Some states don't charge income tax on military retired pay. In all states, VA & Social Security disability payments are tax-free.
If you have issues with retired pay and state income tax, including changing your withholding amount, you can always contact DFAS for assistance.
You can contact DFAS at:
|Defense Finance and Accounting Service|
|US Military Retirement Pay|
|8899 E 56 St|
|Indianapolis, IN 46249-1200|
States Without Personal Income Tax
Alaska, Florida, Nevada, South Dakota, Texas, Washington and Wyoming do not have a personal income tax. Two others, New Hampshire and Tennessee, tax only dividend and interest income.
States That Don't Tax Military Retirement Pay
The following states do not tax retired military pay.
|Arkansas (effective 2018)||Kansas||Minnesota||Pennsylvania|
|Connecticut||Louisiana||Mississippi||West Virginia (effective 2018)|
States With Special Military Retirement Pay Exemptions
The following states have special provisions for military or public pensions:
- The first $2,500 of military retirement pay is exempt.
- The first $6,000 of military retirement pay is exempt, in 2018 all military retirement is tax-free.
- Military retirees ages 55 - 64 can exclude up to $20,000 in any one tax year from their retirement pay, those 65 and over can exclude up to $24,000.
- Up to $2,000 of military retirement excluded for individuals under age 60; $12,500 if 60 or older.
- Up to $3,000 of military pay excluded for individuals 62 or older.
- Servicemember or surviving spouse (if 60 on the last day of the tax year) is entitled to a deduction of up to $5,000 of military retirement or survivor benefits. If you received both military and retirement pay or survivor benefits in the same tax year, you cannot exclude more than $5,000.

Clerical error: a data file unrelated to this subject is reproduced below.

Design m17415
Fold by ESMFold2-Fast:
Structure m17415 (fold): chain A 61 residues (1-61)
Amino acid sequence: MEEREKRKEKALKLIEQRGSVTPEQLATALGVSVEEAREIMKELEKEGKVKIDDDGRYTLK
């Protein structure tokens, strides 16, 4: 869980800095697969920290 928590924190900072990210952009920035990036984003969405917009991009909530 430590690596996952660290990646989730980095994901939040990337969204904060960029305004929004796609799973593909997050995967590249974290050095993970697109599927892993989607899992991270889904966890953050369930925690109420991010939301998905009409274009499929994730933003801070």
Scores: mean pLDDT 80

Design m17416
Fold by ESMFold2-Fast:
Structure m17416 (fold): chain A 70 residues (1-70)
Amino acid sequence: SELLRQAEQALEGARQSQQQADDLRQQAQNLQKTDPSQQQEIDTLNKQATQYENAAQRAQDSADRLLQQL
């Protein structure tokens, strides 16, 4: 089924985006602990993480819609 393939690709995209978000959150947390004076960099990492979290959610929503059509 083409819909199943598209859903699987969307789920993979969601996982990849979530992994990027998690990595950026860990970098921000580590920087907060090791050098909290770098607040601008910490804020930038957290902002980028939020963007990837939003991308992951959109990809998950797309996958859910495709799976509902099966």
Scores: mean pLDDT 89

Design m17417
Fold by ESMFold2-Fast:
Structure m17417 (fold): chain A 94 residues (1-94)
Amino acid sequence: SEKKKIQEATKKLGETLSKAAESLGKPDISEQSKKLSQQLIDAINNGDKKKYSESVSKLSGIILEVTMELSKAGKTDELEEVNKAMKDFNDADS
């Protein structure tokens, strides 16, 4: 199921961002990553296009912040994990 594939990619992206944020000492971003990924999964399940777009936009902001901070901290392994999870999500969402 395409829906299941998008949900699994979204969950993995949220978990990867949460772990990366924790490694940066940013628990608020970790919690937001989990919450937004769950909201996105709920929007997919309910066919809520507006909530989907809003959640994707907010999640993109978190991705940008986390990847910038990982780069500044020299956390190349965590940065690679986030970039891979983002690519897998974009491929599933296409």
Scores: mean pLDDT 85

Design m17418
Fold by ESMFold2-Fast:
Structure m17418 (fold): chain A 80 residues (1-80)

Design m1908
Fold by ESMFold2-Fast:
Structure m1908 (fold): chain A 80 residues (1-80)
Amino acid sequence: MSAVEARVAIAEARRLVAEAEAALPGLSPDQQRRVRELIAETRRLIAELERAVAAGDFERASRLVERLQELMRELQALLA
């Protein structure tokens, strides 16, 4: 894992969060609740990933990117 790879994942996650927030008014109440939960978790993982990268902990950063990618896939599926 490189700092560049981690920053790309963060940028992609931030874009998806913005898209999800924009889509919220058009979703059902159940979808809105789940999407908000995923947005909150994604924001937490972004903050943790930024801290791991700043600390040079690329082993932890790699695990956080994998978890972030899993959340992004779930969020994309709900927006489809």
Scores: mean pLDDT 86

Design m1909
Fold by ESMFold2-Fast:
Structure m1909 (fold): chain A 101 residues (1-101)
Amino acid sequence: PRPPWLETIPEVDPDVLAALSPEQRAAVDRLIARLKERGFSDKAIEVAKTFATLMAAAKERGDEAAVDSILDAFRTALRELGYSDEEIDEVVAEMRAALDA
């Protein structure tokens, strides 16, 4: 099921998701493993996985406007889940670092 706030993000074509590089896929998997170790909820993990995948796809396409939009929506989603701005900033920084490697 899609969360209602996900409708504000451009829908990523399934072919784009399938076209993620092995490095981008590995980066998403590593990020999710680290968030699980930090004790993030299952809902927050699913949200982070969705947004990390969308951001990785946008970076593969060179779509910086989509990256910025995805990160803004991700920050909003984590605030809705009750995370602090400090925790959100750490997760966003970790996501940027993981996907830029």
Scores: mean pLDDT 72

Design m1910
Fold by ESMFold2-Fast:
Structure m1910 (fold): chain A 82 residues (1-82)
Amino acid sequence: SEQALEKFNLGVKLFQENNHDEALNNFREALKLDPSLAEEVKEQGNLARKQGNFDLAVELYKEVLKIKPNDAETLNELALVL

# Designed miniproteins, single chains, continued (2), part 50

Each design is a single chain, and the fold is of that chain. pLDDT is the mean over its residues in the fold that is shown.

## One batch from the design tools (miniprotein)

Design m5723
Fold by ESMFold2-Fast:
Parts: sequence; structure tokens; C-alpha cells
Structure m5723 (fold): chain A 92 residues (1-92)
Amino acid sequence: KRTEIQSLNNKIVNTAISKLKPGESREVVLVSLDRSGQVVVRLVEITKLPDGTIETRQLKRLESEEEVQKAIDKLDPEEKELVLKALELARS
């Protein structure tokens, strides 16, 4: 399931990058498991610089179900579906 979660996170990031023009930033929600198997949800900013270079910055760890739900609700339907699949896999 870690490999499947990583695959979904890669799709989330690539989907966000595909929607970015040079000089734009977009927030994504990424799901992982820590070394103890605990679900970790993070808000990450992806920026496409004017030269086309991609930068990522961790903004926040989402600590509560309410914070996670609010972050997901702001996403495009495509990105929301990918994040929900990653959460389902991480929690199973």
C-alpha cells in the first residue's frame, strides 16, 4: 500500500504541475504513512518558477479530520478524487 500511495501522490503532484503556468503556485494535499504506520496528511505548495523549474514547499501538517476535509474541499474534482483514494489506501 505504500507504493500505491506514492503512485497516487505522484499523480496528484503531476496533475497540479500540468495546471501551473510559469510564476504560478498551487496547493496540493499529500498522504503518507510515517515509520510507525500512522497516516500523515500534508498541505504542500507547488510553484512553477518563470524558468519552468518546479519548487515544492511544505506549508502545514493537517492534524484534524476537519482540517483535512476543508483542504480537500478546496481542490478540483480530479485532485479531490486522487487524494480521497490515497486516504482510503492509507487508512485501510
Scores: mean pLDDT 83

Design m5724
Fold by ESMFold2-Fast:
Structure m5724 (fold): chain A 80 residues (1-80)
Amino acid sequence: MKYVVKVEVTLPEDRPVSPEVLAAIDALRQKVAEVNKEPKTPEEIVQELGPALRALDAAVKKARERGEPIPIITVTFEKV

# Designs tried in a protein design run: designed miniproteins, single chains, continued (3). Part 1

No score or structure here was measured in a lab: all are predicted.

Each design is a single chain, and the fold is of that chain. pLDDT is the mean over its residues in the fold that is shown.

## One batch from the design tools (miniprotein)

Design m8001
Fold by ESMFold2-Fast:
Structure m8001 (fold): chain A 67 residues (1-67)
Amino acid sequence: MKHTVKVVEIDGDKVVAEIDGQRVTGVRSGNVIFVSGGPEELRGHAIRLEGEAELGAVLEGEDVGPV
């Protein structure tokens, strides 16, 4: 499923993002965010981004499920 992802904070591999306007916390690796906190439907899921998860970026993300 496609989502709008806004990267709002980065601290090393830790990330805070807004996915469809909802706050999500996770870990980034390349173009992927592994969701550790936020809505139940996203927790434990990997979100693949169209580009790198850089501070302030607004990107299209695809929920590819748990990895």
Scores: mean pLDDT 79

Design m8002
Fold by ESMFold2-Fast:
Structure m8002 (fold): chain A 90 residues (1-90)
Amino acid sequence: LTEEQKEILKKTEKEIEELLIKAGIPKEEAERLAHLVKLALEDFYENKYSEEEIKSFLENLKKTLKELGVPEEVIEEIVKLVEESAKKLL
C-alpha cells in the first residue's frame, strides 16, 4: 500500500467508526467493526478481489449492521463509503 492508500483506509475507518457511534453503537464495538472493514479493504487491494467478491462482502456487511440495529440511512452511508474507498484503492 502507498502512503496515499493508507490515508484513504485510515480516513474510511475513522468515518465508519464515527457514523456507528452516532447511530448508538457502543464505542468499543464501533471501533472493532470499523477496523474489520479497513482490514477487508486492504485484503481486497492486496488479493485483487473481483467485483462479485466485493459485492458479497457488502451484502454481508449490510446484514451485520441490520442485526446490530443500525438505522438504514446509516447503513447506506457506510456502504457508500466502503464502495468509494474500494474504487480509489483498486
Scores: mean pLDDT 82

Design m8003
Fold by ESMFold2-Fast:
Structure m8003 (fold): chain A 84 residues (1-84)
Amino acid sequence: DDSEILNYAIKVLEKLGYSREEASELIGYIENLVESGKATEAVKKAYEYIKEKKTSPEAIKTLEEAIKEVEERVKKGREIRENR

- Partially exempt if retired after December 31, 1997; exempt if retired before January 1, 1998
- Military retirees are exempt from income tax on the first $5,000, with an increase to the first $10,000 (once they become over the age of 65), of their retirement income.
- Married couples with Missouri adjusted gross income less than $100,000 and single individuals with Missouri adjusted gross income less than $85,000, may deduct the greater of $6,000 or 100 percent of their public retirement benefits, to the extent the amounts are included in their federal adjusted gross income.
- Special rules see our Nebraska State Benefits Page.
- Only if you had at least 5 years active duty before August 12,1989
- The greater of 75% of your retirement pay or $10,000
- If you had military service before October 1, 1991 you may be able to deduct a portion of your retirement pay. If you didn't have military or federal service prior to October 1, 1991, your military retirement is taxed normally.
- An individual taxpayer who has military retirement income, may deduct an amount from his South Carolina taxable income equal to the amount of military retirement income that is included in his South Carolina taxable income. The deductions are phased in over five years beginning in 2016.
- First $2,000 is exempt, plus an additional exclusion total whose formula is years of military service multiplied by 2 percent, multiplied by military pension; or $20,000, whichever is less. In 2018 all military retirement is tax-free.